Further, there are those who find themselves called into a culture or ethnical community that they were neither born into or raised in. Can you be connected to this culture if it isn’t physically a part of you? I think if some way of life on the other side of the world resonates in your blood, in what ever way, that feeling and where it comes from should be investigated.

I was immediately reminded of a white female rapper who calls herself “V Nasty.” With the intention of laughing at her efforts, I was actually really perplexed and intrigued with how she embodies the identity of an urban gangster rapper. It’s interesting because, at this point in time, this role is generally governed by black men (or at least, they’re the ones in the public eye). And don’t get me wrong – she’s a terrible rapper and I don’t support anything she does in any way… But I think this video makes an interesting comment on how culture groups sometimes have clearly define boundaries.


White Girl

An 11 hour plane ride almost erases the idea of distance. Initially only the multitude of unfamiliar trees made me feel as though I were carrying a small terrier in a wicker basket and wearing ruby slippers: I weren’t in Texas anymore. The first two weeks of living in Auckland were full of adjusting, adapting, and maneuvering myself to appear as invisible and unassuming as possible. I didn’t realize how uncomfortable testing the waters of a new culture could be. Luckily for me, Auckland is the largest city in New Zealand and it was easy to blend in within the surprisingly international crowd. Eventually, as I familiarized myself with the layout of the city and formed friendships with those living with me, I felt I had a right to own the space I occupied.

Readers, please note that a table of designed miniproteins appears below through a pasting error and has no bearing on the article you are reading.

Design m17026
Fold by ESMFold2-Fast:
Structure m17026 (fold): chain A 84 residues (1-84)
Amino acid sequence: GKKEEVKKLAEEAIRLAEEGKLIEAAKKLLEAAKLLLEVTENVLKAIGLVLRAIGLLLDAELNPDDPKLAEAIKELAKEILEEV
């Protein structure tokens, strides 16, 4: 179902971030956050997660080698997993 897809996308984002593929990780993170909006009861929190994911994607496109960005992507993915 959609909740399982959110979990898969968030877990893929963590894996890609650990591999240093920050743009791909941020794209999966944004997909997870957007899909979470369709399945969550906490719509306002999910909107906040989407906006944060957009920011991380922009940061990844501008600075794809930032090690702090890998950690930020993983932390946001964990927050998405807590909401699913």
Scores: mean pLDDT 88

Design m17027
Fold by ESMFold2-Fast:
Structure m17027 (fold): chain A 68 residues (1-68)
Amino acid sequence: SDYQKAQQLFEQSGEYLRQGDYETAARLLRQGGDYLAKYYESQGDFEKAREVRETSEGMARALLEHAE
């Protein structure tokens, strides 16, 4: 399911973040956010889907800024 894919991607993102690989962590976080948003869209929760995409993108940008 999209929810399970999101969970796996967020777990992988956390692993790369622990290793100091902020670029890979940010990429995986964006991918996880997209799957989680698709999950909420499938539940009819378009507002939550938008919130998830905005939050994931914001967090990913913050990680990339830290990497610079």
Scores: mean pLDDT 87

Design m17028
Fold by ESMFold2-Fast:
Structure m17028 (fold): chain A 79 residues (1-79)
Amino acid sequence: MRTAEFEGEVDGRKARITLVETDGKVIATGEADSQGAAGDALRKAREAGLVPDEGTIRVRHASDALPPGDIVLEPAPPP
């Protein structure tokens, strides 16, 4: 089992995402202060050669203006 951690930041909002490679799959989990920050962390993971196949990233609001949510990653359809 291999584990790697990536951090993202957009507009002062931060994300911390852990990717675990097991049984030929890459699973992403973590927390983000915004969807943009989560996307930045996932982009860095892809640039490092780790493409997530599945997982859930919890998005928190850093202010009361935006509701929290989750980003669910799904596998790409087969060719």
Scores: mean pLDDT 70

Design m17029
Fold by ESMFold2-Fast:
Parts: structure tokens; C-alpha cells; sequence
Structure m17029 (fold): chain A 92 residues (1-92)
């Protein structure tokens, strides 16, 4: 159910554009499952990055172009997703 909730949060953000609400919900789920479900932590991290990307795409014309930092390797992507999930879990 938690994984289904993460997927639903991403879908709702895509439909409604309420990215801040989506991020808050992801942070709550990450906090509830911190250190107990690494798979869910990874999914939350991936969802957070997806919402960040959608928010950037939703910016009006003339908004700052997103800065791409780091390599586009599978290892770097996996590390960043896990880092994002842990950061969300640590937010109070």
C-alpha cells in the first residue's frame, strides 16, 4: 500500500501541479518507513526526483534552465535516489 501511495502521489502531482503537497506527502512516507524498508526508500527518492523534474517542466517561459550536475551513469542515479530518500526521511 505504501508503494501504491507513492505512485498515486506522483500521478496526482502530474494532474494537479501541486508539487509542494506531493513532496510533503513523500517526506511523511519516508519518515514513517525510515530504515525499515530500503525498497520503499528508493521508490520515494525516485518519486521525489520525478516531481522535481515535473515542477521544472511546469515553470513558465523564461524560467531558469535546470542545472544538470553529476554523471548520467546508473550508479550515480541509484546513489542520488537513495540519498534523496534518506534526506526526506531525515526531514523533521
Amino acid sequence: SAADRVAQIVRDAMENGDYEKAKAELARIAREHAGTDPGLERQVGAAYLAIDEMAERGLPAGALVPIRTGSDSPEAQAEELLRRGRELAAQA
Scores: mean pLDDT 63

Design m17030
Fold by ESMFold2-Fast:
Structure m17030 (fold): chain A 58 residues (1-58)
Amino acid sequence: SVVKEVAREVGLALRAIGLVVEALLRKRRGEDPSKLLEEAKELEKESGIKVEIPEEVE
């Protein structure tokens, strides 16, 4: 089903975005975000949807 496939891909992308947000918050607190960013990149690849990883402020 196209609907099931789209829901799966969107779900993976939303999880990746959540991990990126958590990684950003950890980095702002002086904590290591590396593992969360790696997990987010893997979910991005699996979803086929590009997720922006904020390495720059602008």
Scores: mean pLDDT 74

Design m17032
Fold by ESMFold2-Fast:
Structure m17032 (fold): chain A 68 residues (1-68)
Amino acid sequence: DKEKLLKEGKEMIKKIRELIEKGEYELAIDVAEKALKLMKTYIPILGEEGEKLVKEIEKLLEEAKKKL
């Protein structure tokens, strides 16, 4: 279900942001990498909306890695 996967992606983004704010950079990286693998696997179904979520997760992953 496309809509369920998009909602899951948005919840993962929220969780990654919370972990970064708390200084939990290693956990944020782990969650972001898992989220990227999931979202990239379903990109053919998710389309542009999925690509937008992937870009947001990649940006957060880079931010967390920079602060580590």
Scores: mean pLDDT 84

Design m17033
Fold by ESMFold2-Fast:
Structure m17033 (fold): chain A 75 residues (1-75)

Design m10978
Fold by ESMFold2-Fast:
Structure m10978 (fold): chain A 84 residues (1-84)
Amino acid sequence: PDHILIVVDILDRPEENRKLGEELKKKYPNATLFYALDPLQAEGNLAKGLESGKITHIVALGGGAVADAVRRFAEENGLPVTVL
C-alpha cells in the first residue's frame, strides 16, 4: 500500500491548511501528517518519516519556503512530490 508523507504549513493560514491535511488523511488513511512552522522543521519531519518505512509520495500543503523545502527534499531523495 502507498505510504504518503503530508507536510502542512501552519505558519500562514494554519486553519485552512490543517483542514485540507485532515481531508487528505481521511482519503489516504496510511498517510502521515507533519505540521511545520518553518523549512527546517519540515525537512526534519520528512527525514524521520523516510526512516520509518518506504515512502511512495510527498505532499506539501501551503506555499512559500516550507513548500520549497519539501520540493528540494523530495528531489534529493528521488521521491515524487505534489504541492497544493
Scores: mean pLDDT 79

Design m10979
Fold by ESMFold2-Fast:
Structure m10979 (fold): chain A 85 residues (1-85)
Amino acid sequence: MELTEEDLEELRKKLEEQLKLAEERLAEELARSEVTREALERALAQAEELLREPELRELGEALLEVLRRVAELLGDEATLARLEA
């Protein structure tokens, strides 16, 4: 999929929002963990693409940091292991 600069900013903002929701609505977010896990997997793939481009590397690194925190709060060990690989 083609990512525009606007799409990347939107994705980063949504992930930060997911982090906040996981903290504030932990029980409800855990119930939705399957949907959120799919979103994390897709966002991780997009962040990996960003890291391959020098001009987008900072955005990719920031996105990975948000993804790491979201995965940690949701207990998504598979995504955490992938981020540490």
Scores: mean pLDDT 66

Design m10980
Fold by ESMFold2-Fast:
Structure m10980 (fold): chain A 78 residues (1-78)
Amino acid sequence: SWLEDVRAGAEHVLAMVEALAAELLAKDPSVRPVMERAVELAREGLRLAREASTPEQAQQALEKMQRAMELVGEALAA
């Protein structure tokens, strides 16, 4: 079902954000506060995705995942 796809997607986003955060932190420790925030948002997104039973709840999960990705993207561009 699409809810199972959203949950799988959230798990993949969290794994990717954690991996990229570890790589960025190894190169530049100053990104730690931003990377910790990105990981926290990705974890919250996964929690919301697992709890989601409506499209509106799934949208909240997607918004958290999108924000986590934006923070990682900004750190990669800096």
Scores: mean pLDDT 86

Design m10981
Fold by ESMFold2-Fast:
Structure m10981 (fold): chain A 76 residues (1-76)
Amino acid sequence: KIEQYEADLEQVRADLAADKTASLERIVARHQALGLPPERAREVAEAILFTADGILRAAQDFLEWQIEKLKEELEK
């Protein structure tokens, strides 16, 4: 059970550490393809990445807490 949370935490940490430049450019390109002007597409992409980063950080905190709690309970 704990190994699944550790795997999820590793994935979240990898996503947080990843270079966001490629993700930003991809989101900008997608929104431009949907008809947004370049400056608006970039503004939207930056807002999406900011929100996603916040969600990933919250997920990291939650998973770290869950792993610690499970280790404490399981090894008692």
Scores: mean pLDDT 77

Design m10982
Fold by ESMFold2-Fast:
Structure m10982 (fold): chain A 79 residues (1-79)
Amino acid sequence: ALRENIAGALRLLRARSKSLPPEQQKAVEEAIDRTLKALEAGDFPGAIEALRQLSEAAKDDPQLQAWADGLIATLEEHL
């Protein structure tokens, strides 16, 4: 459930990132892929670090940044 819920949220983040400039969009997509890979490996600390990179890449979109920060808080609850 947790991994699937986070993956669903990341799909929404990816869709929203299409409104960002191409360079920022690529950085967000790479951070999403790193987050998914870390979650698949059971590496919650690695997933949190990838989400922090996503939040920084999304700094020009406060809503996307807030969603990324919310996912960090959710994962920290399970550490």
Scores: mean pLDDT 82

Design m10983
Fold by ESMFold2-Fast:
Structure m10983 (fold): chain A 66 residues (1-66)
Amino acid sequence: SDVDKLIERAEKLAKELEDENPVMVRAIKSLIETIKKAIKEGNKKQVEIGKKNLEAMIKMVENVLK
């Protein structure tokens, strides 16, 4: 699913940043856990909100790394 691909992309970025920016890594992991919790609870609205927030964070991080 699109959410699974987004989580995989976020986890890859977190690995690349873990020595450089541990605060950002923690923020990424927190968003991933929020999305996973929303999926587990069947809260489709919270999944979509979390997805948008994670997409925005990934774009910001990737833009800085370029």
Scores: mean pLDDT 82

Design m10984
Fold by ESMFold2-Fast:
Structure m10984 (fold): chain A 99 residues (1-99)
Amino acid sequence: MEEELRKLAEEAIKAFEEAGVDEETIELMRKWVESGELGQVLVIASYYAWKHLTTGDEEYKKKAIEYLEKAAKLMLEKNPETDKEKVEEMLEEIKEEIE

Like your last hairpin inhaled into the vacuum, the feeling of validity vanished when I walked into my first class at University: Intro to Pacific Studies. I immediately realized, for one of the handful of times in my life, I was a racial minority in this space of 170+ people. I also realized  I had never spoken to anyone of Pacific Island ethnicity before. At this point, I didn’t feel particularly uncomfortable, I simply noticed it. I gravitated toward a group of American students I knew from orientation week. The warm, smiling professor introduced himself and proceeded to discuss typical “welcome to class this is what we’re covering” type topics. As I was listening and taking down some notes, the prof. mumbled a joke in Samoan (I think) to which the class roared with laughter. I was startled by the energetic response and looked around to see everyone around me, save the 4 or 5 American students beside me, was rolling with laughter. I awkwardly laughed along. I laughed for the fact I had no clue what just happened, for the fact that none of my friends did either – but mostly I laughed because at that moment I felt so different and small that I wanted to jump on a bald eagle and fly back to Texas right then and there.

An overreaction? Probably. The regret for leaving my comfort zone was fleeting. It was only for the duration of the laughter  that I continued to dwell on my insecurity. I’ve since made many friends from all over the world, a few of them I met in Intro to Pacific Studies. But this whole event got me asking some hard questions of myself.

Why did I notice, the moment I walked in, that I was ethnically different from everyone else? What does it mean that this made me feel uncomfortable? What’s up with this human craving to fit in? Did everyone else notice I was different too?

Does all of this make me racist? … What does it mean to be “racist”?

The woman on the left side of the coat of arms...

The woman on the left side of the coat of arms of New Zealand is Zealandia. (Photo credit: Wikipedia)